Bafflement is not quite the right word. Instead, Ukrainian officials and their allies now see Germany through a confused form of anger. Things had started out well. Within days of Russia's invasion of Ukraine in late February, and in seeming response to international condemnation, Germany had done the following, against type:
It had halted the Nord Stream 2 pipeline, placing it more thoroughly in the palm of Russian fossil fuel suppliers; it had committed — for the first time since reunification — to spend more than two percent of its giant GDP on self-defense, per year,...
Bafflement is not quite the right word. Instead, Ukrainian officials and their allies now see Germany through a confused form of anger. Things had started out well. Within days of Russia’s invasion of Ukraine in late February, and in seeming response to international condemnation, Germany had done the following, against type:
It had halted the Nord Stream 2 pipeline, placing it more thoroughly in the palm of Russian fossil fuel suppliers; it had committed — for the first time since reunification — to spend more than two percent of its giant GDP on self-defense, per year, in perpetuity; and it had announced a 100 billion euro investment to rearm, beginning that instant.
The most moving speech of that special session of the Bundestag was from the finance minister, of the economically libertarian Free Democrats. Christian Lindner, a fiscal hawk, declared that although many might deplore these increases in spending on the grounds of economy, remaining unarmed in this new era of wars of aggression could be only a false economy. What use, he said, is a lean military budget if peace in Europe, and at home, is taken from us without our being able to object?
“The investments in the Bundeswehr,” he said, “should not prompt warnings against new debt. In truth, of course, these are loans that we will take out in the next few years, but in this world … they are investments in our freedom.”
The country, and the governing coalition, supported him.
Before this change of heart, Germany’s contribution to Ukraine’s defense was a shipment of a few thousand helmets. After Vladimir Putin’s invasion, the German Chancellor, Olaf Sholtz, said he would no longer hold up shipments of German weapons in the hands of other countries. They could be donated to the Ukrainian war effort. Joining them would be weapons fresh from German depots. It seemed like a sea change.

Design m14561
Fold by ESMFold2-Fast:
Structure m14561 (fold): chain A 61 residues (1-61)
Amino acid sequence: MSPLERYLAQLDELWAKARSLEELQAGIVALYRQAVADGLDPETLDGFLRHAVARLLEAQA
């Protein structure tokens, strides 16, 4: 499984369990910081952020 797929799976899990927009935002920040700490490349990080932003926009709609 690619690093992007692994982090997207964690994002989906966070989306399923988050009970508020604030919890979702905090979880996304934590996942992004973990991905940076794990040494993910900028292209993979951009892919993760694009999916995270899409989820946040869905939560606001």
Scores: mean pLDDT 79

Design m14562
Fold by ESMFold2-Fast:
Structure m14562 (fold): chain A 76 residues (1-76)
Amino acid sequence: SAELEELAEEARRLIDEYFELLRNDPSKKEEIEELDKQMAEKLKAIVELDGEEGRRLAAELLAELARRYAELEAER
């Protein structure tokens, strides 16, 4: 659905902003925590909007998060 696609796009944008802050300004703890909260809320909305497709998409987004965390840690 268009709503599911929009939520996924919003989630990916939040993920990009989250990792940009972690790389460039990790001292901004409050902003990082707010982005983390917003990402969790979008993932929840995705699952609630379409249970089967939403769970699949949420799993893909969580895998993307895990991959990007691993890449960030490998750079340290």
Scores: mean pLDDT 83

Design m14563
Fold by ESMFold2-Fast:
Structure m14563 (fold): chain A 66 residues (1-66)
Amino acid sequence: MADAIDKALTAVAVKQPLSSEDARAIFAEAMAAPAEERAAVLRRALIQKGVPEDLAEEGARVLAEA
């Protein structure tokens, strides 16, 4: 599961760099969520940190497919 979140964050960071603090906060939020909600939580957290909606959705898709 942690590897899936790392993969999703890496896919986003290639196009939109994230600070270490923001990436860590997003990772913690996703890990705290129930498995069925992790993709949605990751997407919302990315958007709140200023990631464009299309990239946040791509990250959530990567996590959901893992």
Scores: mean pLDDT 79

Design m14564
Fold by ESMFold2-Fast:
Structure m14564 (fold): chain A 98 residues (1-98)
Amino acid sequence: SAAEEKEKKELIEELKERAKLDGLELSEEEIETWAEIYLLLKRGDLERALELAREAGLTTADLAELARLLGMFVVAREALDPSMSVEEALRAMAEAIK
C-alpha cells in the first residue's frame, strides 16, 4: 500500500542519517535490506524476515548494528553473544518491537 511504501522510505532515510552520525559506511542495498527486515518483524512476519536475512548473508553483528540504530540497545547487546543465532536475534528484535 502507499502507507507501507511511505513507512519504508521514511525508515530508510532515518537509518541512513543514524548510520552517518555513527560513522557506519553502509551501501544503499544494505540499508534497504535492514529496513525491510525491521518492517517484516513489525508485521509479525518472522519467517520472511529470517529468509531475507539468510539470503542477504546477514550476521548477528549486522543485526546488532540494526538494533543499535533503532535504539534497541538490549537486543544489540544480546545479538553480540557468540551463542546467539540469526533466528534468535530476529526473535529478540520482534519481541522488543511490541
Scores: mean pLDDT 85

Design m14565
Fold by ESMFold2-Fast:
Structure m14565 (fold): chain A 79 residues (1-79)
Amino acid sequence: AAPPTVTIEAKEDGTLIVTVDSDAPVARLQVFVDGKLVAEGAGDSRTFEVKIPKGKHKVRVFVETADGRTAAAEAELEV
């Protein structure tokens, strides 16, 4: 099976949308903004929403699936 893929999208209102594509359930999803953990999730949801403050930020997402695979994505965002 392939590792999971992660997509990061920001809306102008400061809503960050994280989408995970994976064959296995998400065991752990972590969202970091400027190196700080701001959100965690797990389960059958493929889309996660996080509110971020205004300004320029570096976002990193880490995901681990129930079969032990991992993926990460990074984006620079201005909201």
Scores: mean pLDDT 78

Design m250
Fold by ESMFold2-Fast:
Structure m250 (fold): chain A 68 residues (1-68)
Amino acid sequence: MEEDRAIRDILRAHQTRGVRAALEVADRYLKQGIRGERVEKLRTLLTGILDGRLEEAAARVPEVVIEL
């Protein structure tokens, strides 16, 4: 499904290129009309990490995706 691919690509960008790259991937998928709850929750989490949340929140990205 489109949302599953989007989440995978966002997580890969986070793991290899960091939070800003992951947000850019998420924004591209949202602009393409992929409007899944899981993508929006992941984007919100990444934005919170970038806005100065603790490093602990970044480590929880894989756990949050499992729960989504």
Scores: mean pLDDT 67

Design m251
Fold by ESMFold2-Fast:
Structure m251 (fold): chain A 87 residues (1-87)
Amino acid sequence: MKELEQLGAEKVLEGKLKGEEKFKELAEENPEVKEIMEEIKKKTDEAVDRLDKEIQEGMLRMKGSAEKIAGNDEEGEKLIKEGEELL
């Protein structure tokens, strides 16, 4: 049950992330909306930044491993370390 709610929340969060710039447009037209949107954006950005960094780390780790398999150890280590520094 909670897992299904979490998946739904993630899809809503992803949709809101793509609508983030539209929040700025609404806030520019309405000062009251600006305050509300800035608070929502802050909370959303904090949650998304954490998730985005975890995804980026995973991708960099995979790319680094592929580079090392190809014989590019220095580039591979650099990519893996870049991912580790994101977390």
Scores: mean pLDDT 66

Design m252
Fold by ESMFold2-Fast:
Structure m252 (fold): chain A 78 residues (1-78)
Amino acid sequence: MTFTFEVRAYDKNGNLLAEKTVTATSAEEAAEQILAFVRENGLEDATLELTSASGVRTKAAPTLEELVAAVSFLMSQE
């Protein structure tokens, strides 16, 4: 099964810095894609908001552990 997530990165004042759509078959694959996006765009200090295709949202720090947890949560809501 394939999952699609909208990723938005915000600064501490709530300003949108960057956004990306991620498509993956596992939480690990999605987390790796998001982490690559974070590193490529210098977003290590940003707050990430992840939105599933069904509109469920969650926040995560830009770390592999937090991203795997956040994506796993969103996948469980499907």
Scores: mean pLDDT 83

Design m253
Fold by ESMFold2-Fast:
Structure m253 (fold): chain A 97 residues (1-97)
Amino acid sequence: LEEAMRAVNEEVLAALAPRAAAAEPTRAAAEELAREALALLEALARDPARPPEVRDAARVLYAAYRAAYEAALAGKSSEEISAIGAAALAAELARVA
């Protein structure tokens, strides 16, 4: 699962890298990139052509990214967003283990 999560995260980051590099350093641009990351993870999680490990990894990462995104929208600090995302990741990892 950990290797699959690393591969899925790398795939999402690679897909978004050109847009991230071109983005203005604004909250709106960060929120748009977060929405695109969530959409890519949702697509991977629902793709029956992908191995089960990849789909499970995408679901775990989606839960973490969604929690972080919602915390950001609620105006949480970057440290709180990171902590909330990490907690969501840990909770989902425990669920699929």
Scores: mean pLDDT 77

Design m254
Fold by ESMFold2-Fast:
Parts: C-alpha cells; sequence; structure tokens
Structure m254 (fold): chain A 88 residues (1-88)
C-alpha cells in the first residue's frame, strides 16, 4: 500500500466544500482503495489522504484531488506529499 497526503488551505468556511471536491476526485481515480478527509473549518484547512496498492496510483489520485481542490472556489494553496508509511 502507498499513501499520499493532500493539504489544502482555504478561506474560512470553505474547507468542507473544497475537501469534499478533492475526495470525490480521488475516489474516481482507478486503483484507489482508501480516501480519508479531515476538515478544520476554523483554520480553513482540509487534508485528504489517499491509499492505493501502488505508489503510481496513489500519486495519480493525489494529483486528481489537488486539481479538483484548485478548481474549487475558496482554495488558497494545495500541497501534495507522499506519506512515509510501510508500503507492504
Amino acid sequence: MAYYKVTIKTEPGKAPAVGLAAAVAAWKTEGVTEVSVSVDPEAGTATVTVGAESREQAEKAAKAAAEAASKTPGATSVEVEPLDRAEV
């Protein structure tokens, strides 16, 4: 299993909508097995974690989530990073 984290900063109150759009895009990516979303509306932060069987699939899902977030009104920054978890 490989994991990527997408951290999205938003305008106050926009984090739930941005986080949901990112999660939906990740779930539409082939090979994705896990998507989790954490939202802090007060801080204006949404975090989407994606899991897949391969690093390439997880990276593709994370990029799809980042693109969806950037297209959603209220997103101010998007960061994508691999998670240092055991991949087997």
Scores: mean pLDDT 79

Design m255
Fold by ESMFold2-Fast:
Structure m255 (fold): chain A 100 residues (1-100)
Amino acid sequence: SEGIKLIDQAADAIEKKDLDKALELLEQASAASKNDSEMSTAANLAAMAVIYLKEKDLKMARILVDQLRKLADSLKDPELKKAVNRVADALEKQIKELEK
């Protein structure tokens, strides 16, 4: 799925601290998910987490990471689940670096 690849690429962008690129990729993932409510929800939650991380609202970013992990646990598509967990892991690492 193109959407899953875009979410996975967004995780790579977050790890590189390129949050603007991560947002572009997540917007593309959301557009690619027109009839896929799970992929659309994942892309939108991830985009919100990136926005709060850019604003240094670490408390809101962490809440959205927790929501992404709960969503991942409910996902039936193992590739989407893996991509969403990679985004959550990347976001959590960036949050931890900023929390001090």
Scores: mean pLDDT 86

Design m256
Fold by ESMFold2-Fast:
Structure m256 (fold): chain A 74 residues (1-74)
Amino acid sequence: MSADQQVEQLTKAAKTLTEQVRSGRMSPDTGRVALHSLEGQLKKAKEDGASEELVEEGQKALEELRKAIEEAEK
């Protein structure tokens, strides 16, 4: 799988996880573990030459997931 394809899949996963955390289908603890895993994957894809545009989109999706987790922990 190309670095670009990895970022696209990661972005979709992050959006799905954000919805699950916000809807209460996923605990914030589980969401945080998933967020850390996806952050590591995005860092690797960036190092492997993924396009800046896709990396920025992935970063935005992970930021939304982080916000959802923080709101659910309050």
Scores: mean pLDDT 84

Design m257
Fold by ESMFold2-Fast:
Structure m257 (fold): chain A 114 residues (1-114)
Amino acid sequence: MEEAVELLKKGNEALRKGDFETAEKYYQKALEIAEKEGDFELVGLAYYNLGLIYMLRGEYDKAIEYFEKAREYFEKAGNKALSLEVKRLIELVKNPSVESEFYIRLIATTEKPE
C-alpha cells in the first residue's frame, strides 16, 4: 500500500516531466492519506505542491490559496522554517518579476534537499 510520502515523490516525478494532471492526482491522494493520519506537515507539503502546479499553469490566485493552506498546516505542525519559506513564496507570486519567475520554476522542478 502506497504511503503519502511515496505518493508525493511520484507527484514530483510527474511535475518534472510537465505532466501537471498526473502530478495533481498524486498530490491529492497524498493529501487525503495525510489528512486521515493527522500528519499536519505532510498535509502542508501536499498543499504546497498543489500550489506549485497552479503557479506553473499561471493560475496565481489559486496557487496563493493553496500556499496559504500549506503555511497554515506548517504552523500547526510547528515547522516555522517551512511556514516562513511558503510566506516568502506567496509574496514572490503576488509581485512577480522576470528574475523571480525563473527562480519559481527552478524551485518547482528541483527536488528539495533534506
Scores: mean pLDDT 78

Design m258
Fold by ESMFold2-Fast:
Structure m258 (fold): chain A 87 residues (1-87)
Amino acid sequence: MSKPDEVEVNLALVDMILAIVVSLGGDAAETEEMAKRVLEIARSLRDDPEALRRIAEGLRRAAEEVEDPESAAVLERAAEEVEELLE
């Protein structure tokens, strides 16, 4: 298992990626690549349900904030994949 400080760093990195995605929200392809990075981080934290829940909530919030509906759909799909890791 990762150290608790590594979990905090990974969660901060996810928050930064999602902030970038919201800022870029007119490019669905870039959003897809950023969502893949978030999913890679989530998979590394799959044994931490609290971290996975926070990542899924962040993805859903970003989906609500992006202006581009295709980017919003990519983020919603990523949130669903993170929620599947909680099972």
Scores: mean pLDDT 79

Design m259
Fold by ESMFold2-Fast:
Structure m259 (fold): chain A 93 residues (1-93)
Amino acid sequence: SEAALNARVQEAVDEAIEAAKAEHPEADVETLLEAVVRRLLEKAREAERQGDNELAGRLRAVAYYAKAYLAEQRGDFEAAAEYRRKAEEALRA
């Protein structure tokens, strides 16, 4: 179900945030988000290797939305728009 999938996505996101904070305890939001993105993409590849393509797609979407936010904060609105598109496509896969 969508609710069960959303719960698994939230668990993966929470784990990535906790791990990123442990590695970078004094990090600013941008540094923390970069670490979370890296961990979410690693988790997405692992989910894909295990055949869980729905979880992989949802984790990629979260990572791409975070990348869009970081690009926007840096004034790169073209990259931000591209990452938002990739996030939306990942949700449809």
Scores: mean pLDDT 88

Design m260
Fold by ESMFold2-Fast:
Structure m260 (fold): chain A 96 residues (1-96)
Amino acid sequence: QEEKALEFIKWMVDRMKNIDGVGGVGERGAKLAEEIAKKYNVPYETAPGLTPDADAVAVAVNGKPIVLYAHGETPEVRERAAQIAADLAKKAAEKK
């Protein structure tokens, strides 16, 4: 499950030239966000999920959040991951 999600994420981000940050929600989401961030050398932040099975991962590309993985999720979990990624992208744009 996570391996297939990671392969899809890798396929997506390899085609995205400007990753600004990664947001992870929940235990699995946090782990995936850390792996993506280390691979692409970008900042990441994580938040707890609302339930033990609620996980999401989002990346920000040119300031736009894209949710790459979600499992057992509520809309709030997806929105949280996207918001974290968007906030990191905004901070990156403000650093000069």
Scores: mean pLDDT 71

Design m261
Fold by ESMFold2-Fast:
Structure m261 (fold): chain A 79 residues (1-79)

Many in America, in Europe and in Ukraine, were surprised and delighted.
German policy had since the end of the Cold War coasted by on a species of smug mercantilism. While increasing yearly its dependence on Russia, the longstanding government of Angela Merkel had declared to others that there was no reason to worry, and when Russia invaded Ukraine for the first time in 2014, Germany told the rest of the world — and the Ukrainians — to stop being such babies.
Germany happily traded with a genocidal, imperial China on the ignorant and patronizing basis that through trade, China could be taught how to behave in the modern world (and could make a good number of Germans rich and fat on the proceeds).
The shock of Putin’s betrayal seemed, finally, to snap them out of it. All to the good. Some ministers were making themselves known. Annalena Baerbock, the new Green foreign minister, campaigned as an opponent of Chinese and Russian tyranny. Robert Habeck, the Green vice-chancellor, is widely admired by the Europeans and Ukrainians. He is spearheading the torturous business of disentangling Germany’s grid from Russian gas and oil.